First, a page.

I am a feminist. In college, I minored in women's studies, and I ended up taking lots of classes with some very earnest, intelligent women about various "women's issues." Inevitably in these classes, the sex industry would come up for discussion at some point or another -- stripping, pornography, prostitution, etc. I didn't know what I thought about the subject back then, and I still don't today. I'm deeply ambivalent about it. On the one hand, I agree with the argument that says that all sex industry workers are being exploited, degraded, and objectified; on the other hand, I agree with the argument that glorifies sex industry workers for taking charge of their sexuality, and asks what's wrong with being (or being seen as) a sexual being anyway? I have absolutely no personal experience with the sex industry, so all this discussion was purely theoretical. So when I saw this book, I knew I had to read it. Surely I would find some clarification, some resolution to this conundrum, in the memoirs of an ex-stripper?
As it turns out, not so much. Lily Burana herself is deeply ambivalent about stripping, about what it means to her, to her friends and family, and to society at large. That's why she decided to write this book in the first place -- to get some closure on a sticky subject. In the end, she finds personal peace of mind, but no absolute answer, no epiphany. The truth, I think, probably lies somewhere in the middle of those two opposing points of view -- as well as at both extremes. The two different arguments are both true, at the same time. It's enough to give you a headache!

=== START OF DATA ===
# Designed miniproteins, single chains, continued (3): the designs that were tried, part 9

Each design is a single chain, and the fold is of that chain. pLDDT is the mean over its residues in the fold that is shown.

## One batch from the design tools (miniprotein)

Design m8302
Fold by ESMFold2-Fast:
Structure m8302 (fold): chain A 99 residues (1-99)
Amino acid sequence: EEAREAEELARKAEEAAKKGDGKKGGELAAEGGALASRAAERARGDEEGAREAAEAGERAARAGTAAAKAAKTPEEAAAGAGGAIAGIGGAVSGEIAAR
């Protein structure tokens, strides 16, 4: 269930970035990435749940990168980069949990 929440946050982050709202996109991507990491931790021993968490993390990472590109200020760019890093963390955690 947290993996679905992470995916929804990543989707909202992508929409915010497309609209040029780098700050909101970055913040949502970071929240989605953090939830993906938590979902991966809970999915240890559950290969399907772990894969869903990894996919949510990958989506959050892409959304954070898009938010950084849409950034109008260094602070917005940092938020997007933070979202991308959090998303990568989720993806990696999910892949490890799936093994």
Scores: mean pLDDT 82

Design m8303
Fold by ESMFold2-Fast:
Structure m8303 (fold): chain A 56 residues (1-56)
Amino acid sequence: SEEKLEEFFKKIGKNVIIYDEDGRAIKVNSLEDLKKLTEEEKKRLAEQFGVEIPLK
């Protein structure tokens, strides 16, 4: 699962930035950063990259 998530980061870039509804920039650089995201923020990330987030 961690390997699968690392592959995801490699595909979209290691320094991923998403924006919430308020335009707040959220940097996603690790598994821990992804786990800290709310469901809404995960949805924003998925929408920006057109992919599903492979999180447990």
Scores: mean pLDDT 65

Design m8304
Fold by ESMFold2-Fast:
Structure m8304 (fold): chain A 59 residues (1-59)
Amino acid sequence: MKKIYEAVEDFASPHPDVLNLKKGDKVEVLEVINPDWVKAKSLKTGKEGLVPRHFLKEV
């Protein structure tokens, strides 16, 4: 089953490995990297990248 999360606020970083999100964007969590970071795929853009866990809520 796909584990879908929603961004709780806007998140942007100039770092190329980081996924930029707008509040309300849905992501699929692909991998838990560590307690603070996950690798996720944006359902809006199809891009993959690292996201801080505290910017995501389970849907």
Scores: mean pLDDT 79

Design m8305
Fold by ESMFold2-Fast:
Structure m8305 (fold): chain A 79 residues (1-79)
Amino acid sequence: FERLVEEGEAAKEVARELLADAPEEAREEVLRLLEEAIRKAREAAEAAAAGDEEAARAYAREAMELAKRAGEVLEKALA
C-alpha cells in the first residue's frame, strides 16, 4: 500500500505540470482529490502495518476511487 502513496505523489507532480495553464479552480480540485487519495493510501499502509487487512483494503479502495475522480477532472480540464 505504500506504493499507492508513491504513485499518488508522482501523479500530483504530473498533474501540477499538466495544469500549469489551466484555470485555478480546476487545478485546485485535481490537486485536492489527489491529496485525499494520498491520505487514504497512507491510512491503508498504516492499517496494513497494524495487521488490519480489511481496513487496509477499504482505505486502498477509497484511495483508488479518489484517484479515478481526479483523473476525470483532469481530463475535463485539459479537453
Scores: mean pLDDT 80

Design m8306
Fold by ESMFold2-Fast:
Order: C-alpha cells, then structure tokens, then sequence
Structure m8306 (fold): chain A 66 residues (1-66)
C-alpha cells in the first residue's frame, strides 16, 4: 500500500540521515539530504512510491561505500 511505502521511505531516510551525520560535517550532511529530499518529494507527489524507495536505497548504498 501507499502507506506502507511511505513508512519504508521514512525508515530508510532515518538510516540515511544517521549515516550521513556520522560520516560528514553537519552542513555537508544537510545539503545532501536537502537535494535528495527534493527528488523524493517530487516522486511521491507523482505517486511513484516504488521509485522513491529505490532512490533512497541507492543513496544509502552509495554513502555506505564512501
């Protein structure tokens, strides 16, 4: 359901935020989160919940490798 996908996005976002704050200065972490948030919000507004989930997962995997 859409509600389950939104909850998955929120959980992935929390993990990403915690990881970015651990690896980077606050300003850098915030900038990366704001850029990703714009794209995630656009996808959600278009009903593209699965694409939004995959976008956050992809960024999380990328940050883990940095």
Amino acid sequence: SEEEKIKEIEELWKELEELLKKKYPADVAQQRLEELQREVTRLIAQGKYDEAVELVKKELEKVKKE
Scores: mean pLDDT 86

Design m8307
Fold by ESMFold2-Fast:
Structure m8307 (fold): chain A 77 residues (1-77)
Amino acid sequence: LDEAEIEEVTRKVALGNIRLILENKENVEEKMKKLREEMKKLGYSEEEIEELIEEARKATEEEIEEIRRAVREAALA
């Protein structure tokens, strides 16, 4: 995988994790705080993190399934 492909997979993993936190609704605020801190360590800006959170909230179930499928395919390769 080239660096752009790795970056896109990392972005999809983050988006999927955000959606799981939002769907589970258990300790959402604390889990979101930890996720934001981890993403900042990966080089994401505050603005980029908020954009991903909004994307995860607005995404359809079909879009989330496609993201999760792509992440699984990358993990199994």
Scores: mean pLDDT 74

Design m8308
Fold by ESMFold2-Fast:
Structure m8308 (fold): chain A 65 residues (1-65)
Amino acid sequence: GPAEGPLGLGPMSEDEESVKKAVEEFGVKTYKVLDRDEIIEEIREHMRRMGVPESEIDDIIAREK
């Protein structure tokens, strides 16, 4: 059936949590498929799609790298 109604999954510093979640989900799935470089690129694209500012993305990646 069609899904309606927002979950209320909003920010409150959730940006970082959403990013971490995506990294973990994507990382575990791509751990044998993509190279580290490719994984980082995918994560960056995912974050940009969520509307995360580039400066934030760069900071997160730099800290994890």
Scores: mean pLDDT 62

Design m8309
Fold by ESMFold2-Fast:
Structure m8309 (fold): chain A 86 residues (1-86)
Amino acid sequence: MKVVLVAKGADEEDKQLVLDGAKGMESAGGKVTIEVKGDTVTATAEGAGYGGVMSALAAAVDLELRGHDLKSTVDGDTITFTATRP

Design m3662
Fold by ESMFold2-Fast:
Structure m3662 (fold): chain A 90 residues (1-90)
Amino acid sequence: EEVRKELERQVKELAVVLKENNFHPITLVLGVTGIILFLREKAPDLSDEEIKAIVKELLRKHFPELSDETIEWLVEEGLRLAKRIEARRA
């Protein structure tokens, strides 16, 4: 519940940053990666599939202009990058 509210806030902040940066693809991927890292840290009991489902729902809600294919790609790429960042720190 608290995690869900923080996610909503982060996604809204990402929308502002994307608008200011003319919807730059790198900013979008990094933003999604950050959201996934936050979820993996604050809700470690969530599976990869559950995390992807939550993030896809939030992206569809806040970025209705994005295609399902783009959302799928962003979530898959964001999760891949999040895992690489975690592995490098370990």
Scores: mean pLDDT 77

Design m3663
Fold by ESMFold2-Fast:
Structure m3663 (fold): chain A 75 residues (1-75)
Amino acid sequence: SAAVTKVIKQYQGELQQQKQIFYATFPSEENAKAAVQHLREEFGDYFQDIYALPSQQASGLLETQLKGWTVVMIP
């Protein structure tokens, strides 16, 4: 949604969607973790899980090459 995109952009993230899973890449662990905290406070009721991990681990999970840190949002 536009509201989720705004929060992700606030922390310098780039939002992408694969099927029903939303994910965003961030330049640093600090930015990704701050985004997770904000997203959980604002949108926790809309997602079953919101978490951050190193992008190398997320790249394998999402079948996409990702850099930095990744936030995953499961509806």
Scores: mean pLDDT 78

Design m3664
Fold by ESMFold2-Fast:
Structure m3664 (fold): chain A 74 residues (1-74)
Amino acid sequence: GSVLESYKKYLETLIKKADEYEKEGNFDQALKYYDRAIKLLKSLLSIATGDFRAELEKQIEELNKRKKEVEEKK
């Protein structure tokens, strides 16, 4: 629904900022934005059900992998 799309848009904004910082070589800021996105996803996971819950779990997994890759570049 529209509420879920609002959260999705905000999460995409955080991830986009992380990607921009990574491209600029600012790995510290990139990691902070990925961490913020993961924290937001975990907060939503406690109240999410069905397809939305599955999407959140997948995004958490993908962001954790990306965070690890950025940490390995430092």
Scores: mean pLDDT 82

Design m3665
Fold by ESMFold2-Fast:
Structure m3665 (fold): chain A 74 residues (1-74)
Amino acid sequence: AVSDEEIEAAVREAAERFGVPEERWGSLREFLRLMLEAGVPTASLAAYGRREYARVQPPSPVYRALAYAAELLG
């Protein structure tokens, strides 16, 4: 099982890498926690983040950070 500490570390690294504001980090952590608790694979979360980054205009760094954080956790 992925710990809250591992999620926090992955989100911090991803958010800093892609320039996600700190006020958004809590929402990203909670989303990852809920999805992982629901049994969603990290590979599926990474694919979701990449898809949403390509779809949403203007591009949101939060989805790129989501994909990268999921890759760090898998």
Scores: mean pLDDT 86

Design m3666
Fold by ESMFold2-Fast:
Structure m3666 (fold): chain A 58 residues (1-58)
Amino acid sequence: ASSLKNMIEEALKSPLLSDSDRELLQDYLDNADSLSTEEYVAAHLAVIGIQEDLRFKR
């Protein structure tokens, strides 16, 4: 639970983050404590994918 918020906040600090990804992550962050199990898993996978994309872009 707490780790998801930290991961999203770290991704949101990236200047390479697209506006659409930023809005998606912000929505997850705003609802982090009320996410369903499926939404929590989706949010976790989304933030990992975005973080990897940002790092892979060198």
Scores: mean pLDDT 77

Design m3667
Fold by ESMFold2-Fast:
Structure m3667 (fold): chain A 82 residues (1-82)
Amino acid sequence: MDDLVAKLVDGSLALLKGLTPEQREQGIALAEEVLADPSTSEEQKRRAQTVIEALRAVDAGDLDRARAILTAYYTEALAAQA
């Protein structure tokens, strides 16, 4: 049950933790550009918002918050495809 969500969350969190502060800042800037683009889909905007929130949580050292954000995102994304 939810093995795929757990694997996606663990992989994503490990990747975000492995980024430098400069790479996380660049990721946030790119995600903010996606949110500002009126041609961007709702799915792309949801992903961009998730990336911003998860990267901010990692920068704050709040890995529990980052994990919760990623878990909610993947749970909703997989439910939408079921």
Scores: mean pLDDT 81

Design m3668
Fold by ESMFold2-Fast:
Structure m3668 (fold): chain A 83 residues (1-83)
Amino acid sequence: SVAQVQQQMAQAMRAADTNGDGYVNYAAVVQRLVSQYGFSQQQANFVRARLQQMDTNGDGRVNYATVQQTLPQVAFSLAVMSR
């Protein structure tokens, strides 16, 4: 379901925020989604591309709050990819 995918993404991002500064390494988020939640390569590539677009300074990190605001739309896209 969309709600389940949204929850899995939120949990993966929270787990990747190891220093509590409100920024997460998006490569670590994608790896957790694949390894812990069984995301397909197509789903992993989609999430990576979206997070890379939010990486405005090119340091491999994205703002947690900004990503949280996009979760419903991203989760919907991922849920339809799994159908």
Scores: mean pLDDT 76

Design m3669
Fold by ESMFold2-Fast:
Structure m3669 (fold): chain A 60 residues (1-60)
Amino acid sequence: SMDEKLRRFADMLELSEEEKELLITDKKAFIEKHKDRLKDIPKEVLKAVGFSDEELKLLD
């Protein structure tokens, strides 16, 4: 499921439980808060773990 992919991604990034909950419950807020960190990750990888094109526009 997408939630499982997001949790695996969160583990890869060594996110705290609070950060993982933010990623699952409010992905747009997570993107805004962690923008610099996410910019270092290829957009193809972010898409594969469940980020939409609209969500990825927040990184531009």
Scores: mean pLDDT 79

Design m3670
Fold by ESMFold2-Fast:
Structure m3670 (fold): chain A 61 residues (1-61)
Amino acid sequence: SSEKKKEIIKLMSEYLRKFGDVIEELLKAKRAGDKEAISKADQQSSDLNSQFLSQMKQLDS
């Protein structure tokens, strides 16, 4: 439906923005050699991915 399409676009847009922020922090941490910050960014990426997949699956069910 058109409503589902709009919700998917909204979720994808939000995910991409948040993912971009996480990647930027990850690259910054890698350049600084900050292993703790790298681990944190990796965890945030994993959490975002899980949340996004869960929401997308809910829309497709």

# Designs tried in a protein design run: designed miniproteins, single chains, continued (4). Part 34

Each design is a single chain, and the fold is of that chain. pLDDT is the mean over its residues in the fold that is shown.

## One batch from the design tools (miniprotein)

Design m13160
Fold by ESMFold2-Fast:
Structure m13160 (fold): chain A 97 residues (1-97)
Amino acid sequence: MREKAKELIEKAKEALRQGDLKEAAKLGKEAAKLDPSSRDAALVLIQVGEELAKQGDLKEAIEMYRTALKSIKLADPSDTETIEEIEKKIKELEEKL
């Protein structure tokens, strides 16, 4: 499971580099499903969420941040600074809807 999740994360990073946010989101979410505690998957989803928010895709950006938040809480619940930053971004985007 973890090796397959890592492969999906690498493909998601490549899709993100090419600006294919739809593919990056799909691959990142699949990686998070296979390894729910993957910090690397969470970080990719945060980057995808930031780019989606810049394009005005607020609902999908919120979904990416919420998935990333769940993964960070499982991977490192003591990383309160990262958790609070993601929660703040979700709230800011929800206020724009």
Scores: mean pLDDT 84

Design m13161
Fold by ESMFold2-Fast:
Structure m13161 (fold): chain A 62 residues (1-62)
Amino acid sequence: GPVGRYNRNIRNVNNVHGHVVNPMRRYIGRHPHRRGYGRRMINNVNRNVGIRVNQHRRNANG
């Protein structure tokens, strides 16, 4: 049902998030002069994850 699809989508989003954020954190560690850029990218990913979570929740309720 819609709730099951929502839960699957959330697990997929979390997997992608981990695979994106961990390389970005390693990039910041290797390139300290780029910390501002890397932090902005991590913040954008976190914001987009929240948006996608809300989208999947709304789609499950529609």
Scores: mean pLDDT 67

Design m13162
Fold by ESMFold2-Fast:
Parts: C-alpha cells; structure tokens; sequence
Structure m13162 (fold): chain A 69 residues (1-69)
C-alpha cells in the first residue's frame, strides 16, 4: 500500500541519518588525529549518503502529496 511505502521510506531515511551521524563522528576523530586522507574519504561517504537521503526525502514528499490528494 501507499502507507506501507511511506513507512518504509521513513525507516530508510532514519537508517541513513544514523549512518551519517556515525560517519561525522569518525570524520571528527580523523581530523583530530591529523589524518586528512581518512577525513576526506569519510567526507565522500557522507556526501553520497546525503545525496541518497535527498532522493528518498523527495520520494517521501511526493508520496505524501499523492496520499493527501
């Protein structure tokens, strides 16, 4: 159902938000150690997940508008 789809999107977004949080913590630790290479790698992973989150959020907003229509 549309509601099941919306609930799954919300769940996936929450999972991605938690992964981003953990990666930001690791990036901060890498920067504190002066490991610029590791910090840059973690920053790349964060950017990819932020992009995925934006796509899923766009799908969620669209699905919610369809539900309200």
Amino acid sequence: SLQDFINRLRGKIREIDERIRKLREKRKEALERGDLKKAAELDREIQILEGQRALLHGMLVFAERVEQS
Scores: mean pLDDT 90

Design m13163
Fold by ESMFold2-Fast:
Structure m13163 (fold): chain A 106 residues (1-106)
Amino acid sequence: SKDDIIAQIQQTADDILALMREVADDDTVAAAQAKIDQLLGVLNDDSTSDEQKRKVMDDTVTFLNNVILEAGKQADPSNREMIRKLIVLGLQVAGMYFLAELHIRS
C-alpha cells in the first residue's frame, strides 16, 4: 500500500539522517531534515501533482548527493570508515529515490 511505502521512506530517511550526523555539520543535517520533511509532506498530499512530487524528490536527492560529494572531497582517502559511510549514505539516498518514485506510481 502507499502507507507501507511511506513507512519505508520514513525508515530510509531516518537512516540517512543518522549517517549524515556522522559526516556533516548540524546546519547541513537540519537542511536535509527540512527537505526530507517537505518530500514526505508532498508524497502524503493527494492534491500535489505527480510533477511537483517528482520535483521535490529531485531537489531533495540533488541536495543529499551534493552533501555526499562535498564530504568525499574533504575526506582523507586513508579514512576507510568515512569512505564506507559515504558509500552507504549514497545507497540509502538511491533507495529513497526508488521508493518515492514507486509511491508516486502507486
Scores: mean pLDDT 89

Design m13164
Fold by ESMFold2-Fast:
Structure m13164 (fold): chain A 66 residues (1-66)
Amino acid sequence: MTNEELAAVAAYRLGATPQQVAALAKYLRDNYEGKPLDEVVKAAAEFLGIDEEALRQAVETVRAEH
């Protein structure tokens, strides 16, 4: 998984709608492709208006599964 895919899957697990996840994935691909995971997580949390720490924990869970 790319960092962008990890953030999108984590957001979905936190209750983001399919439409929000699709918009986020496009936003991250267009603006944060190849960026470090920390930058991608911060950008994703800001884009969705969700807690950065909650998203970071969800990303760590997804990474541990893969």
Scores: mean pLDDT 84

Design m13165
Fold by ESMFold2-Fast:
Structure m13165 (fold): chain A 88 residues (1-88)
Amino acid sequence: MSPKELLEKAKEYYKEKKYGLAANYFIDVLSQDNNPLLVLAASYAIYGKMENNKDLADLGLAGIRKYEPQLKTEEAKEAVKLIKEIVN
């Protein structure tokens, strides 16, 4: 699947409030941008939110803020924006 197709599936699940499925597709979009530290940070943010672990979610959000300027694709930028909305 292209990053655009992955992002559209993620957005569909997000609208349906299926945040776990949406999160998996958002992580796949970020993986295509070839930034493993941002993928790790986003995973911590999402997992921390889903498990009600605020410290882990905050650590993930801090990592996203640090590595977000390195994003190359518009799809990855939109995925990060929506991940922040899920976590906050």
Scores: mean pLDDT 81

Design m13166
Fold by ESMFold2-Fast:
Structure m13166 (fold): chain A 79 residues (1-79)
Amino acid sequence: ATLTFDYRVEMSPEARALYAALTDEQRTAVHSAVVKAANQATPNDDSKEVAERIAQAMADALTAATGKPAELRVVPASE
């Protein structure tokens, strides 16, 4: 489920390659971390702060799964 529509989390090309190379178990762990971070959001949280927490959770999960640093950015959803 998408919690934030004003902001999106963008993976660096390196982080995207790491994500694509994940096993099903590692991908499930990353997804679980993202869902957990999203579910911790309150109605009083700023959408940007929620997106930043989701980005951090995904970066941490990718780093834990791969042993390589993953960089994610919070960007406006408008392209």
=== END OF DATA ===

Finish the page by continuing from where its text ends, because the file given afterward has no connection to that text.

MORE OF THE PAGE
The book itself was very good, I thought. I found it entertaining, informative, and intersting. The author has a gift for descriptive prose, for immersing the reader in a particular time and place so that you feel you're there, part of the action. I enjoyed the parts about the various strip clubs she worked at and the parts about her personal life and history equally. Ms. Burana is a gifted autobiographer, and she wrote the book so that her personal journey interwove itself with the nitty-gritty details of what it's like to live as a working stripper seamlessly, each half of a larger whole.
An excellent book! Very different from my normal reading fare, but worth the trip!
I enjoyed this book much more than I expected! The book is a very personal and insightful account of a former stripper's journey across America to strip in various clubs one more time before "retirement". She gives readers insight as to why women turn to stripping, the different types of clubs, and the reasons why men go them. Often funny and even sweet at times, this book shows that stripping as a profession and not as the butt of jokes.